Adventures in plagiarism: Local paper rips off blog, thinks it did nothing wrong

Over the course of the last year, we at Broad Street Hockey have received a lot of heat from certain members of the mainstream Philadelphia Flyers-focused media. We've been lectured in press boxes up and down the East Coast, empty threats have been sent in our direction, and we've been called more names than we can count.

No sense in getting into detail, really, but it's happened. We believe that's because on rare occasion we've written things like this and this and this. We don't make it our job to criticize the mainstream media here, but when we do so, we think we're pretty fair with it. We think it's with good reason.

Many of those writers we've fairly critiqued have turned to these threats and childish tactics in hopes of stopping us from commenting on this stuff from time to time, but when we deem necessary, we absolutely will continue doing it.

Today is one of those times when it's necessary.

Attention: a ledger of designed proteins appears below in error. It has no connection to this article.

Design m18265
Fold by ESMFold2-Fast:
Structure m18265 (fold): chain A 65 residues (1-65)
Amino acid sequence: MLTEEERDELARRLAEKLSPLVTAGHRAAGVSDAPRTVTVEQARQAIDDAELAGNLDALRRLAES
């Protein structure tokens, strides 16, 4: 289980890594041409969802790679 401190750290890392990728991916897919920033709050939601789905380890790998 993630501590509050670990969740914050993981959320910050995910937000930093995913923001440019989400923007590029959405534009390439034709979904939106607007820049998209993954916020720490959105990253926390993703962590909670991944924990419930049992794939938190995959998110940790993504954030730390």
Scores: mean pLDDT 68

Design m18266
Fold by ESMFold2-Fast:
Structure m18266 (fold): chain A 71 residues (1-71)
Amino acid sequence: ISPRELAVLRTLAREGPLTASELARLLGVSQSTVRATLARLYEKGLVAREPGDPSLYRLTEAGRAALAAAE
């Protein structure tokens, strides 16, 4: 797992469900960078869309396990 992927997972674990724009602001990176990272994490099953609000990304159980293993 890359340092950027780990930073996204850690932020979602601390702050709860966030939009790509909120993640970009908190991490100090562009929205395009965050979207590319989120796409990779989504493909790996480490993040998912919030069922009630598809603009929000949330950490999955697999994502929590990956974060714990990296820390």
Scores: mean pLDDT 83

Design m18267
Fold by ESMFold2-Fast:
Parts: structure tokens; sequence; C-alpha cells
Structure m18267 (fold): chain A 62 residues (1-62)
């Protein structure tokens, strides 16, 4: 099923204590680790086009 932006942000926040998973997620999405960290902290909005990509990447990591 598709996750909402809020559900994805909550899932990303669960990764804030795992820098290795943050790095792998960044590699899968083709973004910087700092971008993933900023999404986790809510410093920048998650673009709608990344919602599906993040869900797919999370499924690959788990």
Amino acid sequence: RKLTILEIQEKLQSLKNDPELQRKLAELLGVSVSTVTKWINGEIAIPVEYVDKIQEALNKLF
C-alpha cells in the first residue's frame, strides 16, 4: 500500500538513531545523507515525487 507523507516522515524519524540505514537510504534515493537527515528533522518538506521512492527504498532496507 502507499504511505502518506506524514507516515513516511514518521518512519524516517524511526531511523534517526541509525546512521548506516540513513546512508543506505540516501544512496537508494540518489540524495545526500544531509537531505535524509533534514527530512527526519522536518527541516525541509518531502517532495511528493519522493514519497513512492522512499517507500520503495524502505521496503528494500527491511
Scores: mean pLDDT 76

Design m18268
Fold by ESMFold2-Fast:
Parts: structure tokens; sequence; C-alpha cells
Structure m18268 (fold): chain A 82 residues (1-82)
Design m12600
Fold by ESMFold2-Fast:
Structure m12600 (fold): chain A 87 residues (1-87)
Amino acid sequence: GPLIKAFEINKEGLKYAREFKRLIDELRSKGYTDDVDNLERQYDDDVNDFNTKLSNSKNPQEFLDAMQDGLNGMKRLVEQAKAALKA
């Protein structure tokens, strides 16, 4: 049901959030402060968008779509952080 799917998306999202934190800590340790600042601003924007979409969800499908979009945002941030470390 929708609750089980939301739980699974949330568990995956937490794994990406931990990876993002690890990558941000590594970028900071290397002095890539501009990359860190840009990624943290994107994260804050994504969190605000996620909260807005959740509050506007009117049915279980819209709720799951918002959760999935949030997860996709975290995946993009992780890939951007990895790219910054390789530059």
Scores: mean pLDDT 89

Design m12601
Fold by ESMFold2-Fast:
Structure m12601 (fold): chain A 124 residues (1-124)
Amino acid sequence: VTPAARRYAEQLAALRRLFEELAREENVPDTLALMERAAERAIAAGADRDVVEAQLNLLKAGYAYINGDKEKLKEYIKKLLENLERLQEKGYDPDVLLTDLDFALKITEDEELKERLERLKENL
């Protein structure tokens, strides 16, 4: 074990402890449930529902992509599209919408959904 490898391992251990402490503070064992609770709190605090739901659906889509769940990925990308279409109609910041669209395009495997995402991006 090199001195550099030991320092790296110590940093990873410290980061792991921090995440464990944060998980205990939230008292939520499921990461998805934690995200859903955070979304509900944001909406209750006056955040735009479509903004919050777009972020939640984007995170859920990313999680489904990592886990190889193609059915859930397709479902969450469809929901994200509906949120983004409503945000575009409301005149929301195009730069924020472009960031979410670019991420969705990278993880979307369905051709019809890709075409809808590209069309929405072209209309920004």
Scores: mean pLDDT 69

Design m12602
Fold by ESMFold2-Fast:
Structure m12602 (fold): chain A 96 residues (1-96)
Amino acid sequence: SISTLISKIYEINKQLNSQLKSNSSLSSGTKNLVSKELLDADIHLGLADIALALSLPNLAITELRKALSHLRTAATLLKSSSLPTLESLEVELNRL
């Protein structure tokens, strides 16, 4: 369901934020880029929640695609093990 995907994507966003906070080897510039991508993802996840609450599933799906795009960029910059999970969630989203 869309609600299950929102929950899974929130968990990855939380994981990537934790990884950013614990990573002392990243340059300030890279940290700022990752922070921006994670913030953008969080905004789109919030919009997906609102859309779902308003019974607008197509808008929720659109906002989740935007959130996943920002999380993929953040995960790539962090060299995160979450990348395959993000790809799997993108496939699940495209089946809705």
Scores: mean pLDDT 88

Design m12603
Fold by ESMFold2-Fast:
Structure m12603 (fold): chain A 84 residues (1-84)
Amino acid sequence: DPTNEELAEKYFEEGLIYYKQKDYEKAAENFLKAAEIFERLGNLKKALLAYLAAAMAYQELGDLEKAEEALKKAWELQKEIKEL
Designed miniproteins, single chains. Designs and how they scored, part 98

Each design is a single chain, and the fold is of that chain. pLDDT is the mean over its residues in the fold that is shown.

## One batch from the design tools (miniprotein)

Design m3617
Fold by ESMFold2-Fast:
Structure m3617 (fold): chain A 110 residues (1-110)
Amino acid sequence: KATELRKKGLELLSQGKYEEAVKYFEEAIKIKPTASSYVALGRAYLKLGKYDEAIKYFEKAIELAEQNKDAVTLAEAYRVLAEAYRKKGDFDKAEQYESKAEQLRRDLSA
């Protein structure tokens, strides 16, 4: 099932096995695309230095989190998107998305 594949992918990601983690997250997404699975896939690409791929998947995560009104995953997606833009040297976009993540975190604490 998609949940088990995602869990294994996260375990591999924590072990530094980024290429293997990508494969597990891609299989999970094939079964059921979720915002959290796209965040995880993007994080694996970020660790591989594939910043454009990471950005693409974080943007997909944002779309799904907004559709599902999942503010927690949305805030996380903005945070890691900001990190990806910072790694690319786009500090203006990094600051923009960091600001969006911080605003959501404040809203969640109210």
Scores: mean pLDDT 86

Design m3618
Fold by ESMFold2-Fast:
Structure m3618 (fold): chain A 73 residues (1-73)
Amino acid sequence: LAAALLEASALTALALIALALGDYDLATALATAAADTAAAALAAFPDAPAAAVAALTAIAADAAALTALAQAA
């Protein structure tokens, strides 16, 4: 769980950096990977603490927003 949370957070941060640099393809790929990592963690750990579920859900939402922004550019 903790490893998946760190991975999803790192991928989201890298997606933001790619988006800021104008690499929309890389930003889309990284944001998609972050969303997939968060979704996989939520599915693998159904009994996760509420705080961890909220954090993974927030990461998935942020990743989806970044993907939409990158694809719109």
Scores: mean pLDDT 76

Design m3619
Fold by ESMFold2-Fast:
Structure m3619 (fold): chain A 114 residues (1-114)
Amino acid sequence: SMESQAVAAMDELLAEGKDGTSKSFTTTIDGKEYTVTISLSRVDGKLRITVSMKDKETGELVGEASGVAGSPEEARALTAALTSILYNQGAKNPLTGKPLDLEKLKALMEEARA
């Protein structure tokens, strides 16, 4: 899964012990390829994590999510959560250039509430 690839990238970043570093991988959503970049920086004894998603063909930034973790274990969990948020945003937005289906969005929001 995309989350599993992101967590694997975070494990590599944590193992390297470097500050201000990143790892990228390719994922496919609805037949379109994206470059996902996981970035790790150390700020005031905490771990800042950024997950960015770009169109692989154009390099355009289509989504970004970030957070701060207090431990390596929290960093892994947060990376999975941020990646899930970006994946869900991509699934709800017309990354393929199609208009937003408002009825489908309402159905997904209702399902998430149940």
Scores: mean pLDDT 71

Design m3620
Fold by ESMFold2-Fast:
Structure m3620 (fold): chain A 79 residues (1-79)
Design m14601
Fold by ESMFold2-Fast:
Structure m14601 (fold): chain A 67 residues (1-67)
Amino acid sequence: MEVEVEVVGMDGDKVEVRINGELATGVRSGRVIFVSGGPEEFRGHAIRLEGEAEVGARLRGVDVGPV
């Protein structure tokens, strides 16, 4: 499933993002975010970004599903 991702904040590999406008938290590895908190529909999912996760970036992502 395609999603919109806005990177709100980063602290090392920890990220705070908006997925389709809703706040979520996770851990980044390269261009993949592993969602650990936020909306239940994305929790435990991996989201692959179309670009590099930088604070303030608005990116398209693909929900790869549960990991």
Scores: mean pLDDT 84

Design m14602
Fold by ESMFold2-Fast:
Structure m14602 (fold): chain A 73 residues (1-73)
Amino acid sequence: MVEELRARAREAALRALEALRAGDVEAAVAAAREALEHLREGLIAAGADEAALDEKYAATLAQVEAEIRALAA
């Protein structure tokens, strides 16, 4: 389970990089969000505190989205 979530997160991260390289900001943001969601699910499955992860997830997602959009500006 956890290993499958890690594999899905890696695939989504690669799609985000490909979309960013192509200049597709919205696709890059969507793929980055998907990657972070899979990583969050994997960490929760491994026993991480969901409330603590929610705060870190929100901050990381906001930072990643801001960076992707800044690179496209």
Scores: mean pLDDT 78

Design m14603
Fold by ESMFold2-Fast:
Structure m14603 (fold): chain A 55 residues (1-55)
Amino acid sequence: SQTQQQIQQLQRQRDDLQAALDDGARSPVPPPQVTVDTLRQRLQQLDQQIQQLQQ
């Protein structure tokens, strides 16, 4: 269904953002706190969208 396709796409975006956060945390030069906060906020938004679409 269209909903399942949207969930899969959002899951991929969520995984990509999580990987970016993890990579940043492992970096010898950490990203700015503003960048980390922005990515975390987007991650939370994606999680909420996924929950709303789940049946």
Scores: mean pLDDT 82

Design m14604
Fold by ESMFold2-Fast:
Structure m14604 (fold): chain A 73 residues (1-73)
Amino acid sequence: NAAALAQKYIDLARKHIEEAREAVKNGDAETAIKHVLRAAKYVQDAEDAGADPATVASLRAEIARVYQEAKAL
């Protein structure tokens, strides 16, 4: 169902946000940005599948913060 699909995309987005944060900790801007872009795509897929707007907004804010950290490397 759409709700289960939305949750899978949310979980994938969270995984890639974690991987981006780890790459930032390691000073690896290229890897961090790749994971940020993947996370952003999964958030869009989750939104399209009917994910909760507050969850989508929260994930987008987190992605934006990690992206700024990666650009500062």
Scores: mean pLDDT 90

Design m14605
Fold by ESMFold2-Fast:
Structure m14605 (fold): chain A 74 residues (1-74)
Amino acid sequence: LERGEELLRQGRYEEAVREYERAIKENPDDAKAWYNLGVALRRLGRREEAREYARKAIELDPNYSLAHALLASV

Let's start with this little issue of ... well, what amounts to plagiarism.

Natalia Bragilevskaya is a Philadelphia-based reporter covering the Flyers for Russian daily newspaper Sovetsky Sport. Even if you're not familiar with her work (it's in Russian, so you likely aren't), you've seen her around, notably as Sergei Bobrovsky's usual post-game translator.

Bragilevskaya got quite the scoop after Game 5 vs. the Devils on Tuesday night in Philly: A lengthy, candid interview with Ilya Bryzgalov, which first appeared on their Russian website after the game. Thursday afternoon at Yahoo!'s Puck Daddy blog, contributor Dmitry Chesnokov translated Bragilevskaya's piece into English. This was its first introduction to a North American audience, thanks to the work put in by Chesnokov.

I can't imagine translating an 1,100-plus word story is an easy task, and it's certainly original work. It's work I can't do since I don't speak Russian, and it's work that cannot be done by Randy J. Miller of the Camden County Courier-Post either. (It's fair to assume he doesn't speak fluent Russian, right?)

Yet there it was in the paper yesterday (and in several other papers owned by Gannett, the parent company of the Courier Post): Perfect translations of Bragilevskaya's original piece. Credit was given to the Russian paper, but no credit was given to Puck Daddy, even though it was evident that:

  • a) Miller would have ever known this interview was out there without Puck Daddy's original story and
  • b) he lifted the quotes directly from Chesnokov's translation.